Teaching tennis to a new generation
Published 12:00 am Monday, June 14, 2004
William Pratt, 6, left, and William Wooten, 6, collect tennis balls at the Vicksburg Country Club Junior Clinic. (Meredith SpencerThe Vicksburg Post)
[6/12/04]There are a lot of incentives to play tennis. Friendly competition, social interaction, and staying in shape are just a few.
But kids like to play for one reason.
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“My favorite part is when we get to whack the ball,” said William Pratt with a pump of his fist.
William, age 6, has already been playing tennis for over two years. His sentiments echo those of many other young tennis veterans at the Vicksburg Country Club Junior Clinic. Run by the VCC tennis pro shop, it draws players ranging in age from 6-13, most of whom have been playing for a good part of their lives. The clinic ran all this week, and there is another one set for the week of June 29-July 2.
VCC tennis pro Paige Pratt says young players are drawn to the game because they enjoy the sense of accomplishment they get when they can improve on something or learn a new skill.
“The children love the feeling it gives them when they can hit the ball over the net for the first time,” she said. “The small improvements are such a big deal to them.”
The clinic is geared toward having the young athletes make and enjoy those small improvements.
A day of individual instruction, fast-paced drills, and a little friendly competition ensures that these budding tennis stars will be playing for a long time.
“Tennis is such a great game for these kids because you can play it forever,” said Pratt. “It teaches you self-discipine and gets you involved and active for the rest of your life.”
There are some difficulties, however, in teaching something that requires so much skill and concentration to a group of youngsters.
“Their attention spans are not as long as an older child’s or teenager’s would be,” said Pratt. “You have to keep everything moving or they’ll lose interest.”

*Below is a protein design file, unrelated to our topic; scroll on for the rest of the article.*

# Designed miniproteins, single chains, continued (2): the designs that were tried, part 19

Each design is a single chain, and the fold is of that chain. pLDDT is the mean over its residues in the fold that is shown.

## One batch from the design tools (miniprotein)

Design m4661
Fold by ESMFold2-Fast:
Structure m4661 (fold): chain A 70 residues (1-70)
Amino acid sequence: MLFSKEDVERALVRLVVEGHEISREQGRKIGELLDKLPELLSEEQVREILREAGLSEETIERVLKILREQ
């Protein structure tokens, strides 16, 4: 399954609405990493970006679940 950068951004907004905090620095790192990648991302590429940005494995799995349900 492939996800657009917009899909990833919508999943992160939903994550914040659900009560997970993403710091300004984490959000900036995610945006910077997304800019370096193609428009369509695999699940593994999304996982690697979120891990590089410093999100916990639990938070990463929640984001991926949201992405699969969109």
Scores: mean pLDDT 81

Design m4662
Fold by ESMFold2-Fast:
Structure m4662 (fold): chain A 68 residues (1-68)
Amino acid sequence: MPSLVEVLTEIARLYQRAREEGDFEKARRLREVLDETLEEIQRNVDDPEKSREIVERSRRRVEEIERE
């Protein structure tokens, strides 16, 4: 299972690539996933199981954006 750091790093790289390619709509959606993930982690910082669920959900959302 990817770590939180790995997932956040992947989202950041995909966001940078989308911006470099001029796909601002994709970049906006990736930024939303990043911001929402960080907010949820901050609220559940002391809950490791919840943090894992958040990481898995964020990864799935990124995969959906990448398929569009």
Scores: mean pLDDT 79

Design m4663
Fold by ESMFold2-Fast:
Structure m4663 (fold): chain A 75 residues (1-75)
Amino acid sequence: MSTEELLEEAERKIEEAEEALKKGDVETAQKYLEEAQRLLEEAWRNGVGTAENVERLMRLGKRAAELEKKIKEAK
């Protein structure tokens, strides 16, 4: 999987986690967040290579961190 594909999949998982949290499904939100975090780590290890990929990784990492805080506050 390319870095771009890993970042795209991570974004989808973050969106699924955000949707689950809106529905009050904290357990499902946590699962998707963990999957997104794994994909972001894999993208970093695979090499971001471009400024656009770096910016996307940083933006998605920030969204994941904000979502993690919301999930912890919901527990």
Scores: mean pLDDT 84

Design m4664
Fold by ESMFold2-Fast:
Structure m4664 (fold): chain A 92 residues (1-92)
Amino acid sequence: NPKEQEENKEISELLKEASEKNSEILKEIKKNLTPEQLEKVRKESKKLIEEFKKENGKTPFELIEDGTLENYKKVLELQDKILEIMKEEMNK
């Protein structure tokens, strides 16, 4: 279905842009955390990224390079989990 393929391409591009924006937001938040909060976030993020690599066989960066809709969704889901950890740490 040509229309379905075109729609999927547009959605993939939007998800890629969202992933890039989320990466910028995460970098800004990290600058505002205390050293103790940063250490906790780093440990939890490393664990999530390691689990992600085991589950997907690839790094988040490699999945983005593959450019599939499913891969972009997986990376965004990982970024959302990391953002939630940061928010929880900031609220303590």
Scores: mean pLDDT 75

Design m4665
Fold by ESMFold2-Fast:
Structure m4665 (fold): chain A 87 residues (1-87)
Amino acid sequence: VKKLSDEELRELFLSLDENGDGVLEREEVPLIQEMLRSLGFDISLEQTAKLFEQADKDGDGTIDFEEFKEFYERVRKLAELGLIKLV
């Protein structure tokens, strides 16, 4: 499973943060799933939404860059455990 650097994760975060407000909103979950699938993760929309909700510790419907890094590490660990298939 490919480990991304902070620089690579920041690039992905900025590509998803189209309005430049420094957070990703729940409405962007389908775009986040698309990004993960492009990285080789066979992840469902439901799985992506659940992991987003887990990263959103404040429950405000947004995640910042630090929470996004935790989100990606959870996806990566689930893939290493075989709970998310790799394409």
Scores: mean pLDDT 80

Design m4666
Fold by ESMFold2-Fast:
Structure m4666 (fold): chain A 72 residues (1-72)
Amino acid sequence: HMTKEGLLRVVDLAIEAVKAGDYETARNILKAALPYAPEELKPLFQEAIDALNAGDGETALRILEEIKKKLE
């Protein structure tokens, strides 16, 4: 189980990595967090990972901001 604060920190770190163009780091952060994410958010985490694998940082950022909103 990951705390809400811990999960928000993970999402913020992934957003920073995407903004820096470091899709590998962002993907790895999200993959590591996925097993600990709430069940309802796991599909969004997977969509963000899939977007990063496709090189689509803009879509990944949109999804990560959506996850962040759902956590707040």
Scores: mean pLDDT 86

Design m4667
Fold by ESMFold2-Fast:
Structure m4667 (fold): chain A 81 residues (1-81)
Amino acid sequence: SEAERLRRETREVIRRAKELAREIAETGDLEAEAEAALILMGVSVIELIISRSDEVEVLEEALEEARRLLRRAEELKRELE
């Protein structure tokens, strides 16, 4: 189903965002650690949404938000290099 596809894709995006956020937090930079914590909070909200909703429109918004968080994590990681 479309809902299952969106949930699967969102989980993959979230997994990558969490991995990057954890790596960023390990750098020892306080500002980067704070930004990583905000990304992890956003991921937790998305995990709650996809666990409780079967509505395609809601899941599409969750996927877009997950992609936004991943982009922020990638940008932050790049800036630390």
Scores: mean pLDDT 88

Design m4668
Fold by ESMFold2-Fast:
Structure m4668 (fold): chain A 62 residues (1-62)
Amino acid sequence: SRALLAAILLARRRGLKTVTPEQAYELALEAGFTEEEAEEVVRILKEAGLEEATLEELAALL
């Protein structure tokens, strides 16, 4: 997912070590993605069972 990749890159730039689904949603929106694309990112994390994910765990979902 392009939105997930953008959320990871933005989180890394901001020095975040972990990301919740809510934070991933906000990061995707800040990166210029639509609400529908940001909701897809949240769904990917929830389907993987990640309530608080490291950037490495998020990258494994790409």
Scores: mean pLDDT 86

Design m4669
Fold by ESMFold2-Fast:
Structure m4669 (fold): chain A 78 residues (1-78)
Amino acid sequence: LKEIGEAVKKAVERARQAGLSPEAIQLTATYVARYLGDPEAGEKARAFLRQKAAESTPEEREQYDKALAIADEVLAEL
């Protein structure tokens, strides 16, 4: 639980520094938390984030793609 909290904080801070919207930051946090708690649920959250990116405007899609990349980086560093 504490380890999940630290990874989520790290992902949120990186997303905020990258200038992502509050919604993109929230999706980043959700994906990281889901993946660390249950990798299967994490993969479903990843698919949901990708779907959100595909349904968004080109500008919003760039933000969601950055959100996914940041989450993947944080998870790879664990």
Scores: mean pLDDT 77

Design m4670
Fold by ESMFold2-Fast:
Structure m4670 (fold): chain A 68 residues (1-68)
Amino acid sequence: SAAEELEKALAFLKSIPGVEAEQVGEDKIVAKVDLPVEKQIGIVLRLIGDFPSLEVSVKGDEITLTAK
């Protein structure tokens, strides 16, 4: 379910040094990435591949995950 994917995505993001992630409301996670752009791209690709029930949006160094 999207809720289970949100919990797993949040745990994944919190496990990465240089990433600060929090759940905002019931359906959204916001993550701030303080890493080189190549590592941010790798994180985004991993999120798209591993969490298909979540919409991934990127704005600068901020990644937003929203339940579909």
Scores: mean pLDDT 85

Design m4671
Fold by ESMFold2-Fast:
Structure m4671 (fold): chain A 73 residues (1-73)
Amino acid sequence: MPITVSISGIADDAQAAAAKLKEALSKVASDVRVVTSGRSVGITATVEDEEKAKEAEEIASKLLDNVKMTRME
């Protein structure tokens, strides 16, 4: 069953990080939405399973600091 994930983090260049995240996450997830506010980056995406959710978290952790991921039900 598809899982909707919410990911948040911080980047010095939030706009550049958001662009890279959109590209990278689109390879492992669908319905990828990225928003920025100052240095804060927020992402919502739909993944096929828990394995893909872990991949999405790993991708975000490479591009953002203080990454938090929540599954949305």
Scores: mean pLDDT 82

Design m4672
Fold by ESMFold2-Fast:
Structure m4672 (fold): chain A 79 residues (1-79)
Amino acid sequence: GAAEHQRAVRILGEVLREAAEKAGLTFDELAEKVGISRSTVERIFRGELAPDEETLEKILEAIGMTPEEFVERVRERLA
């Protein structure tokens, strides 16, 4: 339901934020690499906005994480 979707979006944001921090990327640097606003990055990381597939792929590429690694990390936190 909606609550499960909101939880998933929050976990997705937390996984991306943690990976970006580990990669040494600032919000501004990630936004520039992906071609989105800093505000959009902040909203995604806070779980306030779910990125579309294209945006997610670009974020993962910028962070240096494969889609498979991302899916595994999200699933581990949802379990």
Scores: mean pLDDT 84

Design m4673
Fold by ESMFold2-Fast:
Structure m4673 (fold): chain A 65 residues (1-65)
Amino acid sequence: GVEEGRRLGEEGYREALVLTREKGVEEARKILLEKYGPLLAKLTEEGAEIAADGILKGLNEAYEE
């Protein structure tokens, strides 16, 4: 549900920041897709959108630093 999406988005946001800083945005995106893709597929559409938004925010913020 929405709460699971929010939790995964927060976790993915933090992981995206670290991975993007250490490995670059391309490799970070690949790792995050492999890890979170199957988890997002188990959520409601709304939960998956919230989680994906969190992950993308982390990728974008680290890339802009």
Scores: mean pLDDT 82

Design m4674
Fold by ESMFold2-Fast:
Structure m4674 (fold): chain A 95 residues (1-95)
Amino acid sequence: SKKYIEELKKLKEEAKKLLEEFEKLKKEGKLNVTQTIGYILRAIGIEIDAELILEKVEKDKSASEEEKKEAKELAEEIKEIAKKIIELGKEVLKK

But sometimes the difficulty is the opposite getting them to move on to the next activity before they can perform the present skill flawlessly.
“We move fast so everybody is busy while they’re here,” said Carrie Neill, a coach at the clinic. “But a lot of the time, they want to stay with it for longer. These kids want to be the best at everything they’re perfectionists.”
That never-ending drive for excellence might be what will keep them interested past a weeklong summer clinic.
Pratt expects about half of the kids who start playing tennis when they are young to stick with it.
There is a tournament circuit for young tennis players, starting with children at 8-and-under. Most of the competition doesn’t start that early, though.
“It’s rare to see a child who is ready to compete before the 10-and-under league,” said Pratt. “They need a little more experience before they can play at a high enough level to compete in tournaments.”
Most of the ones who keep at it will do so because of the social aspect of the game.
“A lot of the decision to keep playing or not depends on their peer groups and families,” she said. “Most of the ones who stay with it have friends and families involved with tennis, and they are surrounded by it their whole life.
“It’s good to teach these kids a game like tennis. There are some difficulties at first, but they learn fast and everyone involved has a lot of fun.”